macro_rules! assign_to_a {
    //this won't work, because this `a` is not the same as any other `a`
    ($value:expr) => { a = $value; }
macro_rules! assign_to {
    //this will work because we are taking the $a from outside the macro
    ($a: ident = $value:expr) => { $a = $value; }

Very well. You seem quite convinced. I would still recommend that you give the current system a chance and get more familiar with it before proposing a change.


[quote=“raizam, post:11, topic:2663”]
I just don’t want to start a project, checking for errors at each single function call.
[/quote]Your input will carry a lot more weight once you actually start a project and then relate your experience and point out specific problems.


I saw the current error system, and I can’t be satisfied with it.
I Would recommend that you help me write this paper, and spend some of your energy to make something happen (with a working macro) lol

It’s not my input anymore, it’s also @ogeon’s, and yours too now.
guys, I’ll be waiting for pull-requests lol


I’m pretty sure that magically checking for and acting on expression with a Result type is not something the Rust compiler will ever do. [1] If you want to focus your energy on an RFC (which is a laudable thing to do) you should focus on either making try! better, or finding an explicit syntax solution that is compatible with today’s Rust.

But you’ll also want to look at the flip side of the coin. I found that having to deal with Results I often found better solutions for handling the exceptional case than just letting an exception propagate up the stack. One of them is map_or, unwrap_or and similar, which allows a much more compact handling of “default” actions than try-catch blocks would.

[1] After all, the Result type is not only used for error conditions.


I’m sorry to disappoint you, but I’m not convinced. The macro was a fun thought experiment and the only benefit it adds is a substitute to repeating error conversion and a more simple way to produce some default results. That’s also the only benefit I can see with it. It will, on the other hand, prevent early returns, since it’s essentially a function inside the function, and it can make it harder to react the way you want to particular errors.

Making a full blown try/catch expression, where you don’t have to use try! inside it, requires knowledge about the return types of expressions and that is not something that macros or compiler plugins have access to. The syntax tree carries no such information.

I agree with @birkenfeld regarding try/catch in general. Macros are enough magic for me, thank you. I’m not convinced enough to help you write this RFC.


So far no one has openly expressed the wish to have try/catch blocks in Rust.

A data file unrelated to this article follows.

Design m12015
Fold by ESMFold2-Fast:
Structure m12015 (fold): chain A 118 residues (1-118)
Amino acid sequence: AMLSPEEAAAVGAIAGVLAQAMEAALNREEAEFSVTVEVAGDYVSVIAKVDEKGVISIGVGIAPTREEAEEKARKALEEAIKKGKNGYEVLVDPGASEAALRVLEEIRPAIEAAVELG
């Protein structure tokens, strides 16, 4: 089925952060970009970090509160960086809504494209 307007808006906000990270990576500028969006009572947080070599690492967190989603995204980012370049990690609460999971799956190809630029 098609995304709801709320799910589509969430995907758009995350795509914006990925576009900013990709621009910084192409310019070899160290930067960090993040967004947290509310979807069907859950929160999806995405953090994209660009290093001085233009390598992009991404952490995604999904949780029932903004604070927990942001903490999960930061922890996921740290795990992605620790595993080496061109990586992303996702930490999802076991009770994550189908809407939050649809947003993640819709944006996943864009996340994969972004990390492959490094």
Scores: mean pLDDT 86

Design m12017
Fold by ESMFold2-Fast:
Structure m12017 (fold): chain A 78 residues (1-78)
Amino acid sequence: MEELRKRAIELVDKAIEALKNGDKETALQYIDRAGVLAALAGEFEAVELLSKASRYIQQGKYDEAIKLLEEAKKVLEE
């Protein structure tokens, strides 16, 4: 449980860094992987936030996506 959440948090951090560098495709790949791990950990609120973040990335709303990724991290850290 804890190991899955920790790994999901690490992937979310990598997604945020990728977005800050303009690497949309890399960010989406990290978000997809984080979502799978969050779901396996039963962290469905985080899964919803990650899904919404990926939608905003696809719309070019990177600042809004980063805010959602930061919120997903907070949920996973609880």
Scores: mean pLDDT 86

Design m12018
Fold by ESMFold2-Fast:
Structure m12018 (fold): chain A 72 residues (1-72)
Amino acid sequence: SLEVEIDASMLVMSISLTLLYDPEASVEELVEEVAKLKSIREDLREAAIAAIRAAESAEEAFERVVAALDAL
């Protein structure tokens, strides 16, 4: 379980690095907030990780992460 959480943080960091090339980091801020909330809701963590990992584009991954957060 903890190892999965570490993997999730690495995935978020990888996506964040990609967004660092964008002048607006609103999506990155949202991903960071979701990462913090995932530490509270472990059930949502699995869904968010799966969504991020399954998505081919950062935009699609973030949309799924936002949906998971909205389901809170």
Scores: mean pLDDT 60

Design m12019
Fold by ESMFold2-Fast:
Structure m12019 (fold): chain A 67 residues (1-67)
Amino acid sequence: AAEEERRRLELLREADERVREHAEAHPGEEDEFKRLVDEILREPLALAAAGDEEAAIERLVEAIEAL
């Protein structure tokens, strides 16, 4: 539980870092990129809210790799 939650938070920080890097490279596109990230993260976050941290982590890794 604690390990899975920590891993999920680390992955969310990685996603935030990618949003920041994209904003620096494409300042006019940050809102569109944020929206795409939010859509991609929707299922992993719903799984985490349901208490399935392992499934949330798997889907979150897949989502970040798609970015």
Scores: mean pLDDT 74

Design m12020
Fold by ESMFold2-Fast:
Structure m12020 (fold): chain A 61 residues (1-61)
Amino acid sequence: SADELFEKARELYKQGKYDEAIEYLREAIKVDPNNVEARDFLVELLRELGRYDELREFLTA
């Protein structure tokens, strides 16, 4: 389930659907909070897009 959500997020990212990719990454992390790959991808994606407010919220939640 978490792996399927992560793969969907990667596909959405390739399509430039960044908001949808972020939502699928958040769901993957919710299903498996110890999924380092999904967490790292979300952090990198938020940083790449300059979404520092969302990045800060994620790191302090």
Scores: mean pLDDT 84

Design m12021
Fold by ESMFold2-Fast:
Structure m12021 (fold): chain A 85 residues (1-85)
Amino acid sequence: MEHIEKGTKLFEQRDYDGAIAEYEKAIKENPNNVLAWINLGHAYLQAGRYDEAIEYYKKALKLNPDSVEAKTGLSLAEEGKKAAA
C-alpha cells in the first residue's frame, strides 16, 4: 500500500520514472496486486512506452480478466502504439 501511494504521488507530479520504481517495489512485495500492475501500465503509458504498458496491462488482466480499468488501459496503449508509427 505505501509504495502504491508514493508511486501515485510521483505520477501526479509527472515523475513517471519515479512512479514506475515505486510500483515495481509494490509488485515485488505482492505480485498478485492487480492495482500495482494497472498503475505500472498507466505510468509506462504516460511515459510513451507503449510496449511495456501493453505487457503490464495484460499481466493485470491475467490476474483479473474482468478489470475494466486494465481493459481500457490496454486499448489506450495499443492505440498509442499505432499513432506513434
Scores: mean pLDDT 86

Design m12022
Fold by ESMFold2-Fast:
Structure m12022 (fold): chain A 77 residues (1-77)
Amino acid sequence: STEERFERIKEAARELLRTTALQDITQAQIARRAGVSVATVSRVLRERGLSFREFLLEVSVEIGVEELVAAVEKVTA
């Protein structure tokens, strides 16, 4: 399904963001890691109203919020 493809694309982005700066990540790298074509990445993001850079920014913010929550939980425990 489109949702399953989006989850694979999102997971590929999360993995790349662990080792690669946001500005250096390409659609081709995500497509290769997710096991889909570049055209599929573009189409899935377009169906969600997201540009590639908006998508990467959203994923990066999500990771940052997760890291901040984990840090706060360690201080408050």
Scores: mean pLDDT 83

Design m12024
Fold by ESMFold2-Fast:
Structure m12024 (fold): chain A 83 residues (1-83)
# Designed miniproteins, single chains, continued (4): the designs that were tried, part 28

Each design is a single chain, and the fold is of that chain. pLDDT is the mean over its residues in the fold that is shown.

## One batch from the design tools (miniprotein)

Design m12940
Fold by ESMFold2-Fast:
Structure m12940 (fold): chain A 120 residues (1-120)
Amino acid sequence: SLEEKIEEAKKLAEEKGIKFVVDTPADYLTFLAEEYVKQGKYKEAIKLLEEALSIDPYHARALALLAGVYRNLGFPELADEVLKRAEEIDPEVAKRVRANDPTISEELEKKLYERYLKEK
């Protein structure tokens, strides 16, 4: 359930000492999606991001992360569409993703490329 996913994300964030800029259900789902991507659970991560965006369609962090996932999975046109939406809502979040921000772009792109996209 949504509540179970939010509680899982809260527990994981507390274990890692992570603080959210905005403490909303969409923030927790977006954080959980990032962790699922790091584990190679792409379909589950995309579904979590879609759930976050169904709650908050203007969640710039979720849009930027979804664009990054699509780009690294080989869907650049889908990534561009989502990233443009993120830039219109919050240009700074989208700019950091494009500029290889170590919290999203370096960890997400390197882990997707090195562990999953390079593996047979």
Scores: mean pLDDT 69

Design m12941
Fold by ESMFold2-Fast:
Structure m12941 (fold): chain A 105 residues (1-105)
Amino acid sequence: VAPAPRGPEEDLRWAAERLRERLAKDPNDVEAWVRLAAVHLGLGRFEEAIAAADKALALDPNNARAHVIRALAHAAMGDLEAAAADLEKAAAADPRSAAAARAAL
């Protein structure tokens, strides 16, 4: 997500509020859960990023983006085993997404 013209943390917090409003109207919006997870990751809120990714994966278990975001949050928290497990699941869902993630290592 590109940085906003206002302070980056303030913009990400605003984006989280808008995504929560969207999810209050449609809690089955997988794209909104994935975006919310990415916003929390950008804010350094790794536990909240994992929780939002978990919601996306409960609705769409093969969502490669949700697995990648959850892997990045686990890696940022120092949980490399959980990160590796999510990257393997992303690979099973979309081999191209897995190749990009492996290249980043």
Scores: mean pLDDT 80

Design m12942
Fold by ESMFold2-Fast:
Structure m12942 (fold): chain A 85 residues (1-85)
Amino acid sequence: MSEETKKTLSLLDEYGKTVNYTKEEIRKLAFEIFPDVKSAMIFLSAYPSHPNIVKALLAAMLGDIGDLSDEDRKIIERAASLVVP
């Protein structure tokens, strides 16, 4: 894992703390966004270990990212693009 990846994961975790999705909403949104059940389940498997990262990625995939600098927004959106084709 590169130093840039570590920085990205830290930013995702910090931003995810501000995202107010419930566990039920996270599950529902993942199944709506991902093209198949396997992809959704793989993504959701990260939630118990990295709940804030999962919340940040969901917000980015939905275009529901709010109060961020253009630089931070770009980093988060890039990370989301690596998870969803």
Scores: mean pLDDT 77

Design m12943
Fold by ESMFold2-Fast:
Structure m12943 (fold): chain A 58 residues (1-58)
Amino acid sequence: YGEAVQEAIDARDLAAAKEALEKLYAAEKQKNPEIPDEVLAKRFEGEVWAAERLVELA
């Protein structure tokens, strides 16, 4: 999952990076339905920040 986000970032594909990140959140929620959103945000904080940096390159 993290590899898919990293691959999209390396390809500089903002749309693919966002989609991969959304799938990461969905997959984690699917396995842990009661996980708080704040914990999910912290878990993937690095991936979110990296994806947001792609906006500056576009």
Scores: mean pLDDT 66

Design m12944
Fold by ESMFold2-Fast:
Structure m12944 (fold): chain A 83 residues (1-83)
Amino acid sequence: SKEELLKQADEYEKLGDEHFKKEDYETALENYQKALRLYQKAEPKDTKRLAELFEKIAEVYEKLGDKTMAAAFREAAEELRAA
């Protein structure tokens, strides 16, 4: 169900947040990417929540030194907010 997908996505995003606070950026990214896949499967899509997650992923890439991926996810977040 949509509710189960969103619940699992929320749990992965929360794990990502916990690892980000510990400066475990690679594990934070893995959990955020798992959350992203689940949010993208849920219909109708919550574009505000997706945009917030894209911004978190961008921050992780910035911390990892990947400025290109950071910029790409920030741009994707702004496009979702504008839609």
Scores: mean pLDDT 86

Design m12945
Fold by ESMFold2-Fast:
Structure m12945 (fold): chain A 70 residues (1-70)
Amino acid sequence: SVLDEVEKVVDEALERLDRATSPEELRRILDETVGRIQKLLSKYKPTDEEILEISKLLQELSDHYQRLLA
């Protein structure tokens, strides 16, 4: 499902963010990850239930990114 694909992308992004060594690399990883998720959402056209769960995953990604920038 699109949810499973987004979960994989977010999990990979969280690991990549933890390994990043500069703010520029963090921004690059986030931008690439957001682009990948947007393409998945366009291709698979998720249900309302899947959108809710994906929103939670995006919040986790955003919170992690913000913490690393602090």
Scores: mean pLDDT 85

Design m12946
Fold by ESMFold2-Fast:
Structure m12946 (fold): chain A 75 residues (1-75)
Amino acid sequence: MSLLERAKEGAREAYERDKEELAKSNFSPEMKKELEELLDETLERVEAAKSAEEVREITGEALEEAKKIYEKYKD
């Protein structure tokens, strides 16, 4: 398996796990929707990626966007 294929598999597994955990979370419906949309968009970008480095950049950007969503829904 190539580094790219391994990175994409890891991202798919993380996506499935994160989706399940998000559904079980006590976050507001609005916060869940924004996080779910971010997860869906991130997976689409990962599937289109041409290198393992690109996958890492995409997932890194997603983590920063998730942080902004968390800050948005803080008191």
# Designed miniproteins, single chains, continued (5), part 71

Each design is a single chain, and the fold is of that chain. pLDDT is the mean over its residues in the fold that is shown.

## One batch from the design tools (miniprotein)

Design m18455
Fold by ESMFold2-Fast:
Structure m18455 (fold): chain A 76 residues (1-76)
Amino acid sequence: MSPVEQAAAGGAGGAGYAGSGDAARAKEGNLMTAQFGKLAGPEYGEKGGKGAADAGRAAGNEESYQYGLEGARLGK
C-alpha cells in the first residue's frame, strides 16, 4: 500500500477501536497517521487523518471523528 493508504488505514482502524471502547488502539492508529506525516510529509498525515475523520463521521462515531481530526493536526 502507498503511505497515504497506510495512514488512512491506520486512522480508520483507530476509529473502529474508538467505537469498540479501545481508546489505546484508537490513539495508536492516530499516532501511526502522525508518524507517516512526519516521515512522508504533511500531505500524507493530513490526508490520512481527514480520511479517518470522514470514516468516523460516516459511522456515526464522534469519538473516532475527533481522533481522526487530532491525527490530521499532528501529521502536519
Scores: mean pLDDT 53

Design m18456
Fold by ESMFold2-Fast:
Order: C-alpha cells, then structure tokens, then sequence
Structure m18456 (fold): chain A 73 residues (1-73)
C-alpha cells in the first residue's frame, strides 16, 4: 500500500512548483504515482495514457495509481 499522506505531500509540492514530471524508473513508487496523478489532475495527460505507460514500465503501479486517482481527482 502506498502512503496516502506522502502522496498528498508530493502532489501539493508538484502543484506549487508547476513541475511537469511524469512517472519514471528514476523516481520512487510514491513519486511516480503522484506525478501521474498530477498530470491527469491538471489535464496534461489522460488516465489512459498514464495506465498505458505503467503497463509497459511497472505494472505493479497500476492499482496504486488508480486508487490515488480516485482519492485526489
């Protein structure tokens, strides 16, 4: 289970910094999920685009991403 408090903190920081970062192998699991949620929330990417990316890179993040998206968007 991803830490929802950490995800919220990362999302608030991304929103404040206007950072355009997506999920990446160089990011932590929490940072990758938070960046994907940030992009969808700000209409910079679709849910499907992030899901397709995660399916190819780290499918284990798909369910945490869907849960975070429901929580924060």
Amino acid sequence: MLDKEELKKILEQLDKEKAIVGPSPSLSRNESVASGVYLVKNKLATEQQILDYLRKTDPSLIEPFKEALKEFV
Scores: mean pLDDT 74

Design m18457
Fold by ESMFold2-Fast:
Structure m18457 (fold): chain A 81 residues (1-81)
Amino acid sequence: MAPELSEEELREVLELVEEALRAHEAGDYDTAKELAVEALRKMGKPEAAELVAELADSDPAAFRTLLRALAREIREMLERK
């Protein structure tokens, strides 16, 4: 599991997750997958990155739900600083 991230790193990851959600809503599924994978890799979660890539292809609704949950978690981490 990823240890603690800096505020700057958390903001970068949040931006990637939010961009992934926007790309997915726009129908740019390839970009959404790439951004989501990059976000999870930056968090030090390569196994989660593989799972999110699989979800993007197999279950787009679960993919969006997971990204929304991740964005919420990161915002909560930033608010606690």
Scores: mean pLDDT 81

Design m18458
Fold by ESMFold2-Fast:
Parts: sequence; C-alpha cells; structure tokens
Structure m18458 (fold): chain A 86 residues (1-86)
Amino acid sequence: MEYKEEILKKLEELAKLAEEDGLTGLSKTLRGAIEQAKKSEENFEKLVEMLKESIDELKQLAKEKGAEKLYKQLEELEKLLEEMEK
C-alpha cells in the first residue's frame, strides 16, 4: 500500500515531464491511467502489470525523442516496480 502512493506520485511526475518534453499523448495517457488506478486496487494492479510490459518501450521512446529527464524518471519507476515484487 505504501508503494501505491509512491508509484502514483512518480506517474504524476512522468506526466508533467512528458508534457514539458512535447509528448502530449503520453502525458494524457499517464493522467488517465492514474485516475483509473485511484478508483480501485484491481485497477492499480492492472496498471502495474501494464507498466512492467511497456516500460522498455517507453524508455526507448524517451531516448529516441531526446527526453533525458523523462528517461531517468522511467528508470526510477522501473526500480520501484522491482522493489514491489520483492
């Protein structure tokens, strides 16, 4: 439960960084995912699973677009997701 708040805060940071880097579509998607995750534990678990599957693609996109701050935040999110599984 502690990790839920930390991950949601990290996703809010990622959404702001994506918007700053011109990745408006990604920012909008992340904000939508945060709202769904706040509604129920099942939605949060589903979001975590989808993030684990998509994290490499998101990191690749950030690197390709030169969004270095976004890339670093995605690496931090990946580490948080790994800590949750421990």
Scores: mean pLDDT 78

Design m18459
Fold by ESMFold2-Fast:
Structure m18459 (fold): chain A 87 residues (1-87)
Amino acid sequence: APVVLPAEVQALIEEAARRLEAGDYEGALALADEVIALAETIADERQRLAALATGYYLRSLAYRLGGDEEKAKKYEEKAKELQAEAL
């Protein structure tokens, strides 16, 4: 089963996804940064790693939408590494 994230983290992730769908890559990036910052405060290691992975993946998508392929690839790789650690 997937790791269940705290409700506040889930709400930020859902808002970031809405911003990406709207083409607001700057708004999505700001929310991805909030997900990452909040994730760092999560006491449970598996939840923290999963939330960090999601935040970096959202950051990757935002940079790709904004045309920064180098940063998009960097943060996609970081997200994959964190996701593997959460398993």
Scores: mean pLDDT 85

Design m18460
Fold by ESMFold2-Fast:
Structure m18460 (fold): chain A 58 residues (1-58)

So far I’m on my own on this one.

Compiler plugins! I’m so happy to discover this!


I probably do agree with you somehow, but when an error occurs in the real world, there are usually only 3 ways to handle it:

  1. Create the conditions to make the error less likely to occur again (with additional checks and enforce Design by contract philosophy)
  2. Wait a certain amount of time, and try again (happens at high level only, mostly with network errors).
  3. Show a nice error message, log the error.If possible cancel the operation rather than the entire application, and keep things running as if nothing ever happened. At this point, a recovery strategy has to be chosen.

So here we have 3 use cases, but only 2 possible contexts:

  • The application is being developed, use-case #1 is the one happening during coding/tests cycles. Here, errors are addressed by fixing the algorithm itself and nothing happens in the error handler.
    a panic! message is just what is needed, with a detailed error.

  • The application is in production and an error occurs, the only solutions available is to choose between 2 and 3.
    Implementing these two behaviors requires only 2 functions for the entire app. So the question is:

why would you want to specify for every Result returned what to do when an error occurs, while you have only 2 options available?

This is why Exceptions are needed, it provides a centralized places somewhere, in the stack, so you can decide how you want your application to resume (or not).

Exceptions do tend to bring memory leaks, and unsafe de-allocation of resources, especially in native languages. But my proposal here is only faking exceptions, while conforming with Rust’s safety requirements.


[quote=“raizam, post:18, topic:2663”]
why would you want to specify for every Result returned what to do when an error occurs
[/quote]Why indeed if you can use the try! macro.


Let’s assume that I’m a good rustarian and I decide to choose the try! macro. Here is how my code may look like (pseudo code):

 let my_file = try!(open_file());
 let my_text = try!(my_file.read_file());

well… should I try chaining these, see if it works? :smile:

Anyway, I couldn’t convince anyone. I lost my day. I give up on convincing. I should rather start investigating on my own on the technical side. Or switch to D. difficult choice.
well I should at least try to resolve this by my own.